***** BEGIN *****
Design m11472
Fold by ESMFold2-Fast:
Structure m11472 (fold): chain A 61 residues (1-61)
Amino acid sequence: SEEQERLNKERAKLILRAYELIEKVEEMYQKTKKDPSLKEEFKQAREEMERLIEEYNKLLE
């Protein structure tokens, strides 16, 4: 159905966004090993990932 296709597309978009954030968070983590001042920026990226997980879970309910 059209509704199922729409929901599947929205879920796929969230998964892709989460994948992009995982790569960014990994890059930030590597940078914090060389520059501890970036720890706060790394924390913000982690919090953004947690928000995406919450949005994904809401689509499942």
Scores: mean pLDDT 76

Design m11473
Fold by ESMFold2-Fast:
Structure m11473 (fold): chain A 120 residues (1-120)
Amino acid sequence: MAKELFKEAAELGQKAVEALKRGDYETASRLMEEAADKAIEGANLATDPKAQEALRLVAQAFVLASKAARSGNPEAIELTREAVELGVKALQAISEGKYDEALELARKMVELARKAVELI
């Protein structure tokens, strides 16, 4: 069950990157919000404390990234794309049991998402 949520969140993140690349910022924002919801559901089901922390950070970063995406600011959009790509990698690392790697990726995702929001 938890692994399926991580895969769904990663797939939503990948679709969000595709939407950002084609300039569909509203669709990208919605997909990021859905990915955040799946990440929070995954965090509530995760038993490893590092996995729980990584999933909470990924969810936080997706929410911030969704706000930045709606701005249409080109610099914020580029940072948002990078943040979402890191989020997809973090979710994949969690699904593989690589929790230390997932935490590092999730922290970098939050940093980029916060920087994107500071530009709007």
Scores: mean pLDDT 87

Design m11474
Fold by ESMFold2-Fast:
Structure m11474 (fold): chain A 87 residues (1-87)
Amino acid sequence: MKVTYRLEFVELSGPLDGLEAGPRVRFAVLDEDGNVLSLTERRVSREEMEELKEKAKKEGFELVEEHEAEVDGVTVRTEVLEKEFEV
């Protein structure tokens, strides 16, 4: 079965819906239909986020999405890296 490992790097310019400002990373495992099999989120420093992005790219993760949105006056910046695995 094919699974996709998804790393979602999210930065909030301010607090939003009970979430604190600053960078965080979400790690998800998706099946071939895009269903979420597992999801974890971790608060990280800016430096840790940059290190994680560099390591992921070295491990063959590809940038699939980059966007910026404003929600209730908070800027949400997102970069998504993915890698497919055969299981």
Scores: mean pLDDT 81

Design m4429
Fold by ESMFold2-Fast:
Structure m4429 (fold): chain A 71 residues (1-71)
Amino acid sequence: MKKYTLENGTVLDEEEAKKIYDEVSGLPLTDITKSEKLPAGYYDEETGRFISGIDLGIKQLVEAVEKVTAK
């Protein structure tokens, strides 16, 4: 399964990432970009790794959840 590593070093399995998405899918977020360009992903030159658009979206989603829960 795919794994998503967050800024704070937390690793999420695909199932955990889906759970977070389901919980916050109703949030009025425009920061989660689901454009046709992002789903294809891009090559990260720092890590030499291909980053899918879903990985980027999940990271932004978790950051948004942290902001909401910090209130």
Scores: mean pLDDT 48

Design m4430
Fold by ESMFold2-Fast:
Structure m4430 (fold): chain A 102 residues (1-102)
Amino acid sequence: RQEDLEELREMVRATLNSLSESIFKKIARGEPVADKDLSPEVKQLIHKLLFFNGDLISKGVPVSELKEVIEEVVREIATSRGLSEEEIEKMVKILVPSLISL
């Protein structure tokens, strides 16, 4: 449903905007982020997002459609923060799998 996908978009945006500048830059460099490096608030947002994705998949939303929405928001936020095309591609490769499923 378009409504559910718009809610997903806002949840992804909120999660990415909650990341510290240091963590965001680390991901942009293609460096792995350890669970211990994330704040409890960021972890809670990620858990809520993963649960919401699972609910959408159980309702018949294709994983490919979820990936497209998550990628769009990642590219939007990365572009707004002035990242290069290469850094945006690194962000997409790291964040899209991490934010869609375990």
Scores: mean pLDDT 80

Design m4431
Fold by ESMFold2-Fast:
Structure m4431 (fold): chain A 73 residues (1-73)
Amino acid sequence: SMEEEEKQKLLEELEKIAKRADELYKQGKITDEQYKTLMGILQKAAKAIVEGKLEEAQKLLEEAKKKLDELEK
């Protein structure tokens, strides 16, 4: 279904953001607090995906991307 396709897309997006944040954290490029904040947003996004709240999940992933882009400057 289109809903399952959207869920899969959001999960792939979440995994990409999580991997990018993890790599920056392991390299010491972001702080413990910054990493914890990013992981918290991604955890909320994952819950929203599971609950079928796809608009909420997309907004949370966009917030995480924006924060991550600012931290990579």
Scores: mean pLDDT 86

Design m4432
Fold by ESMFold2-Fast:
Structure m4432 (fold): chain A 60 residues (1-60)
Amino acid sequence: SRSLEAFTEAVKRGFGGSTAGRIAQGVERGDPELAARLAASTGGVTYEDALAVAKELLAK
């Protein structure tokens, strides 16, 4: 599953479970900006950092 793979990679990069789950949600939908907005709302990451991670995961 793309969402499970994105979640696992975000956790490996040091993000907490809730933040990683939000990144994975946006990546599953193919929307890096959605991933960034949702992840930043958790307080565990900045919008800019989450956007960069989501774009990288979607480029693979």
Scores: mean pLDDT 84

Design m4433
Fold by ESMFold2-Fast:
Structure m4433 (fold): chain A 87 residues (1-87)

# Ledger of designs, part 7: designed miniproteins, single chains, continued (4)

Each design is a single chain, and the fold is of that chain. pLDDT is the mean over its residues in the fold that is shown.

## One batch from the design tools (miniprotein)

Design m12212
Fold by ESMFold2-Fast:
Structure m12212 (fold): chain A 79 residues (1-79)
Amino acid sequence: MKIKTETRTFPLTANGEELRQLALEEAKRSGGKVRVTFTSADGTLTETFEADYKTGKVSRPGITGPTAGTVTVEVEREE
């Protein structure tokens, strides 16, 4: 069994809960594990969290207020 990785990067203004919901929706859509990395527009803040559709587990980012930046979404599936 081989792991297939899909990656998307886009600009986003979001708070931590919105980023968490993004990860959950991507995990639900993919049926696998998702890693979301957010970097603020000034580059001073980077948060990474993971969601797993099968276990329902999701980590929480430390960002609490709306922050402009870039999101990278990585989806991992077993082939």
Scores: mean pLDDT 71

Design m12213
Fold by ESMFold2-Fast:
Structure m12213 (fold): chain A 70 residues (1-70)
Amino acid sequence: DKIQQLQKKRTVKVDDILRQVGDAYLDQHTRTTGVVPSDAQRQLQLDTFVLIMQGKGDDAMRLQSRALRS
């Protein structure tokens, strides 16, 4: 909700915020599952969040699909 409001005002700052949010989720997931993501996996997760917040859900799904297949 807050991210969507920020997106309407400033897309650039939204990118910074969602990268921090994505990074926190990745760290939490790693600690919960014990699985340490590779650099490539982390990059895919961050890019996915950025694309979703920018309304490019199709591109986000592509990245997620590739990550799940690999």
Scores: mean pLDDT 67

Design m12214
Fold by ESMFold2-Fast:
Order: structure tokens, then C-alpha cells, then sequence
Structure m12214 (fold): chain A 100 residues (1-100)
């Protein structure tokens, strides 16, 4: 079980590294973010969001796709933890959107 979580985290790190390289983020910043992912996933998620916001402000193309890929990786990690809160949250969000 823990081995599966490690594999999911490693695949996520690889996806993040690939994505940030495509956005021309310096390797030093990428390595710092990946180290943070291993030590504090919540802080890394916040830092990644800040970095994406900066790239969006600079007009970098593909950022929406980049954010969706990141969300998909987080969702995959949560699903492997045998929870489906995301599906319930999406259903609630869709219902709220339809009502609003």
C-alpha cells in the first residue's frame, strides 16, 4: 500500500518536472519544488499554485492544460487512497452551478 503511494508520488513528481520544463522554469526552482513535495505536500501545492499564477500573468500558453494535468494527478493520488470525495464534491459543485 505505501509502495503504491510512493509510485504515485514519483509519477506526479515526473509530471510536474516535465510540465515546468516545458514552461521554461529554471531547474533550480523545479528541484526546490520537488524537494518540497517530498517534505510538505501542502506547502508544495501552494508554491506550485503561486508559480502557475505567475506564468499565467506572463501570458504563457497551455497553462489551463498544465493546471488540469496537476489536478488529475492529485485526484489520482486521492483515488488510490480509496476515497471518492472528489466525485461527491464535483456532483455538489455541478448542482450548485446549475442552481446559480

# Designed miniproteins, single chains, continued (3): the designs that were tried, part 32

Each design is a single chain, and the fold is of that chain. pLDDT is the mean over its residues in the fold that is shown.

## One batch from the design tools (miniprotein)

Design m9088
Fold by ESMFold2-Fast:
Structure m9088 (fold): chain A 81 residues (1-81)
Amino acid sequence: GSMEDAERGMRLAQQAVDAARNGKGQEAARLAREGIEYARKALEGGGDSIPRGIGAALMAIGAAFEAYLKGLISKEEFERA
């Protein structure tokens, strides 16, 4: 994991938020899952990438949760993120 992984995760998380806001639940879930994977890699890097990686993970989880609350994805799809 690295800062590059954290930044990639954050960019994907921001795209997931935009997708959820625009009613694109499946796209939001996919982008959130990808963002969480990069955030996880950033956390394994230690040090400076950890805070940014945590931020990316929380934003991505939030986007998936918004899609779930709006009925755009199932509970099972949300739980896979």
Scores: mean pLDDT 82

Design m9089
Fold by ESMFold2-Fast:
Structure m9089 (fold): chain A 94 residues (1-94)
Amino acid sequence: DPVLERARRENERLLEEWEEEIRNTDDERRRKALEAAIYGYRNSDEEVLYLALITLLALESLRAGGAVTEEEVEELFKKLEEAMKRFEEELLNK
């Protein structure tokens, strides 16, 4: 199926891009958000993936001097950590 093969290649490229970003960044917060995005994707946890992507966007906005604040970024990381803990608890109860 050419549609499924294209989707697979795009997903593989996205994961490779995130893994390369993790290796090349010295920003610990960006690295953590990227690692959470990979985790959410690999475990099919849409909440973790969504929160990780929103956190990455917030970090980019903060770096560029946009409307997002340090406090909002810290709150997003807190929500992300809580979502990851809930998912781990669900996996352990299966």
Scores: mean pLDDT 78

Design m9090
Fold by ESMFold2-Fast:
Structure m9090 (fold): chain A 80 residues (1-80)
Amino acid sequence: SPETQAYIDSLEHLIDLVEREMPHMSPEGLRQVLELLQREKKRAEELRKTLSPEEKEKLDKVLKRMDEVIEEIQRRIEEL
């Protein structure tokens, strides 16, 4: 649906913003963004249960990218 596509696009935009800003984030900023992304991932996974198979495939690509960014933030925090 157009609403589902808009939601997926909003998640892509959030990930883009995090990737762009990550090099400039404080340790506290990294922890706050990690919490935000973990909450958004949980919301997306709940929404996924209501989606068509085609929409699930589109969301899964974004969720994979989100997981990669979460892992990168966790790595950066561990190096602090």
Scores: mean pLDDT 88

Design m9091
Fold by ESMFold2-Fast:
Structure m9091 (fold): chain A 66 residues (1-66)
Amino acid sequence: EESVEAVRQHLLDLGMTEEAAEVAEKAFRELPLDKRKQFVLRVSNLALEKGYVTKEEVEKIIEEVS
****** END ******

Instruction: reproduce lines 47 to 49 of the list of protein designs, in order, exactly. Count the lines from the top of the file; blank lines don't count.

Each design is a single chain, and the fold is of that chain. pLDDT is the mean over its residues in the fold that is shown.

## One batch from the design tools (miniprotein)

Design m12212